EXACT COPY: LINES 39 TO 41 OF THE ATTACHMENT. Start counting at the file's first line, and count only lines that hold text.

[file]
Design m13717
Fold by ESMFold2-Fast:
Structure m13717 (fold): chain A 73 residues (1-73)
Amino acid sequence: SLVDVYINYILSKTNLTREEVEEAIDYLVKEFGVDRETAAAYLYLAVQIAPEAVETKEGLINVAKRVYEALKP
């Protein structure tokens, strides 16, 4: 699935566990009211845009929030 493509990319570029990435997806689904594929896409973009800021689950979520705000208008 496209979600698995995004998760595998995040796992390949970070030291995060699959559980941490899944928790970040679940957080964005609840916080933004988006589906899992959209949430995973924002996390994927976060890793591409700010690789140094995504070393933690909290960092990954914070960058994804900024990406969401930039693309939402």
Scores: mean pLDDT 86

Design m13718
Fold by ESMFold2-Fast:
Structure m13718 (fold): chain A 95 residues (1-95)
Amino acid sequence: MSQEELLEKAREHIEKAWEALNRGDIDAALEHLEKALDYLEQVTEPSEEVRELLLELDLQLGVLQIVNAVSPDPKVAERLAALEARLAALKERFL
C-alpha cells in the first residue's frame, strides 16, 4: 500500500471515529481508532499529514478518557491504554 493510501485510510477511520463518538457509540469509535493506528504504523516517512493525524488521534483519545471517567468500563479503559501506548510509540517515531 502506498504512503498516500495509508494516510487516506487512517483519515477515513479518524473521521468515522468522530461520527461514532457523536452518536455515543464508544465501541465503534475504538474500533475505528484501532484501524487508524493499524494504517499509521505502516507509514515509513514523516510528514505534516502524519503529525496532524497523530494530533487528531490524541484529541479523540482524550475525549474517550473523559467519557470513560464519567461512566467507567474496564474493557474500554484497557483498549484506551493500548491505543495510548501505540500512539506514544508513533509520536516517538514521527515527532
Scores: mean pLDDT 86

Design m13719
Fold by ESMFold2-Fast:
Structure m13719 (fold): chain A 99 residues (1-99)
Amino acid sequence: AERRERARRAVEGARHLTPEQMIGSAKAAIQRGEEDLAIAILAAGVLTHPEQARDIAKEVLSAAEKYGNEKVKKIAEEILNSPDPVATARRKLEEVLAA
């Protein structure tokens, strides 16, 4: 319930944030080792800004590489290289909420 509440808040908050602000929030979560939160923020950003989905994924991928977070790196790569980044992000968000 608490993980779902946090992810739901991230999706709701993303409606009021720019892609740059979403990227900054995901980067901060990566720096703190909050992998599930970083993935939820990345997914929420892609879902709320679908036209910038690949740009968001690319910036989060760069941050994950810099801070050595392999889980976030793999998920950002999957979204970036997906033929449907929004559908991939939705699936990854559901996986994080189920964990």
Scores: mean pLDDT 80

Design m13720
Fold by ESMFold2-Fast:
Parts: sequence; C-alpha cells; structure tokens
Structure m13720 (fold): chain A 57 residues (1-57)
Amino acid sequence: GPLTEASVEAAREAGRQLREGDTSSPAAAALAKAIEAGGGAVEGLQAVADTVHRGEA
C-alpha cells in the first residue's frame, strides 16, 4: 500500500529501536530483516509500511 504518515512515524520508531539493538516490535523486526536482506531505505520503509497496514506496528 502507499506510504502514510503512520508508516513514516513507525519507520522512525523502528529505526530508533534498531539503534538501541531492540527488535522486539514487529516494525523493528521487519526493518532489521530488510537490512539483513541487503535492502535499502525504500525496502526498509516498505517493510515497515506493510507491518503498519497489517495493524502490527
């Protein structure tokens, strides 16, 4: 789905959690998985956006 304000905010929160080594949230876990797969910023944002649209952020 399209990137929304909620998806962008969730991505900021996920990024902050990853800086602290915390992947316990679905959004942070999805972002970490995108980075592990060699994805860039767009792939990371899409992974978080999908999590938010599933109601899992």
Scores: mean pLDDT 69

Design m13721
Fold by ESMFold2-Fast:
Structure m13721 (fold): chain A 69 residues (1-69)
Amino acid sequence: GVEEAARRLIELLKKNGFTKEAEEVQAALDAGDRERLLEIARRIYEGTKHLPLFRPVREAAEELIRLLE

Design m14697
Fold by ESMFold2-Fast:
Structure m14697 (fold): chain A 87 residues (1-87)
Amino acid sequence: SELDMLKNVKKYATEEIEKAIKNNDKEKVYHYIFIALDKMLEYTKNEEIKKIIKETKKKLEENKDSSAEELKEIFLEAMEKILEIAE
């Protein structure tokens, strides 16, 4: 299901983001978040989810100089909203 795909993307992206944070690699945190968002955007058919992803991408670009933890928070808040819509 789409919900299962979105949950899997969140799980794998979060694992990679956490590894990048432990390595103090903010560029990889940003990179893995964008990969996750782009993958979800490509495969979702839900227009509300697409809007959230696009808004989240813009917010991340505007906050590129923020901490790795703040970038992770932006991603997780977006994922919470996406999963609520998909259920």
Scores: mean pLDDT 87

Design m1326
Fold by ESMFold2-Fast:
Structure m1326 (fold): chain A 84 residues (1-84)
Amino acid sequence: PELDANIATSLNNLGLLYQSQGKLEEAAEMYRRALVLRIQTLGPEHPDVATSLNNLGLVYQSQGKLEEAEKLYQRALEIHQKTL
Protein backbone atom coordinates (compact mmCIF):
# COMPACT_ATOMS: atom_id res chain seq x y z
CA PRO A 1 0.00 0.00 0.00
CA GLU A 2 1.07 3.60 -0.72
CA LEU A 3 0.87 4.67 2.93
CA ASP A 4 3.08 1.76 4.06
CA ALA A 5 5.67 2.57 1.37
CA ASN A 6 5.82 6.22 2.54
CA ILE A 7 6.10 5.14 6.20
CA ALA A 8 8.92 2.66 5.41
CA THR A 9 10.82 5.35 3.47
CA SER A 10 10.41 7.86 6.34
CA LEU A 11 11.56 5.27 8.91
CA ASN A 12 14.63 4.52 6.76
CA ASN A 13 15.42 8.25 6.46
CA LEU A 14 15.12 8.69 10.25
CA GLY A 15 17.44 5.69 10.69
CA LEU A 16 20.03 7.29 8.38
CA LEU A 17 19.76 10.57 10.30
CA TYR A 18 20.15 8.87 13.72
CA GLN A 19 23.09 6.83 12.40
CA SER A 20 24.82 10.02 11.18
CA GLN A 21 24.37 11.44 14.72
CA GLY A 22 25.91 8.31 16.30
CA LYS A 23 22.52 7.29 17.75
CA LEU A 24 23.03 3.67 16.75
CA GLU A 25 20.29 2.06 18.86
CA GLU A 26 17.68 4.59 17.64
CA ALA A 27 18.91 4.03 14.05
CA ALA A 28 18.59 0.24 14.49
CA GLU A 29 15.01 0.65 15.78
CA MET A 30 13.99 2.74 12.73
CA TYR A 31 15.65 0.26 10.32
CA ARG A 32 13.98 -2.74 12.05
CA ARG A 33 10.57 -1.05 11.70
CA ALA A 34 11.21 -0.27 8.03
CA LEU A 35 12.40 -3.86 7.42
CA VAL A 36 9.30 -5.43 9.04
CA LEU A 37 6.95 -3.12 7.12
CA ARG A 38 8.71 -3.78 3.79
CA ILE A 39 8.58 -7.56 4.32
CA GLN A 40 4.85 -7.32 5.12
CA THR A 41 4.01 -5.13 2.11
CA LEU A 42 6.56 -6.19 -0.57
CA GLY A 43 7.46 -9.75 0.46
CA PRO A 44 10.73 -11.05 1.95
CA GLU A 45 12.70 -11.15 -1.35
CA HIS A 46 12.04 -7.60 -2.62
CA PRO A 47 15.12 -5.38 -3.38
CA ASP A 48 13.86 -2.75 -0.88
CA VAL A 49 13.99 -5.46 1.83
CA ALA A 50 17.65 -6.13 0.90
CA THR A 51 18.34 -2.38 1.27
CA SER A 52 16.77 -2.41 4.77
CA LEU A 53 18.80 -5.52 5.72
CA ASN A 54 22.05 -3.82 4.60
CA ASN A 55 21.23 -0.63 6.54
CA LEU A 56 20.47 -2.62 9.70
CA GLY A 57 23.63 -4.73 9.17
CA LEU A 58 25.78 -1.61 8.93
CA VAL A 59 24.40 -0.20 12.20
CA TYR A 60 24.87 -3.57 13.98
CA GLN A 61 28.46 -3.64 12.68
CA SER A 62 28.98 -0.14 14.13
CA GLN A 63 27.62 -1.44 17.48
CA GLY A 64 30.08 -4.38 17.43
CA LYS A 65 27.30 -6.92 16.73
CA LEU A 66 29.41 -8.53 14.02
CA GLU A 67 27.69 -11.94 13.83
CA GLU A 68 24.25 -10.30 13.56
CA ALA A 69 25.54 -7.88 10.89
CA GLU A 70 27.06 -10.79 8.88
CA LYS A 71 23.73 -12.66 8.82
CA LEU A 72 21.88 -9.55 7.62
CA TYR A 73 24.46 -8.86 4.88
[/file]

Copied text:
Structure m1326 (fold): chain A 84 residues (1-84)
Amino acid sequence: PELDANIATSLNNLGLLYQSQGKLEEAAEMYRRALVLRIQTLGPEHPDVATSLNNLGLVYQSQGKLEEAEKLYQRALEIHQKTL
Protein backbone atom coordinates (compact mmCIF):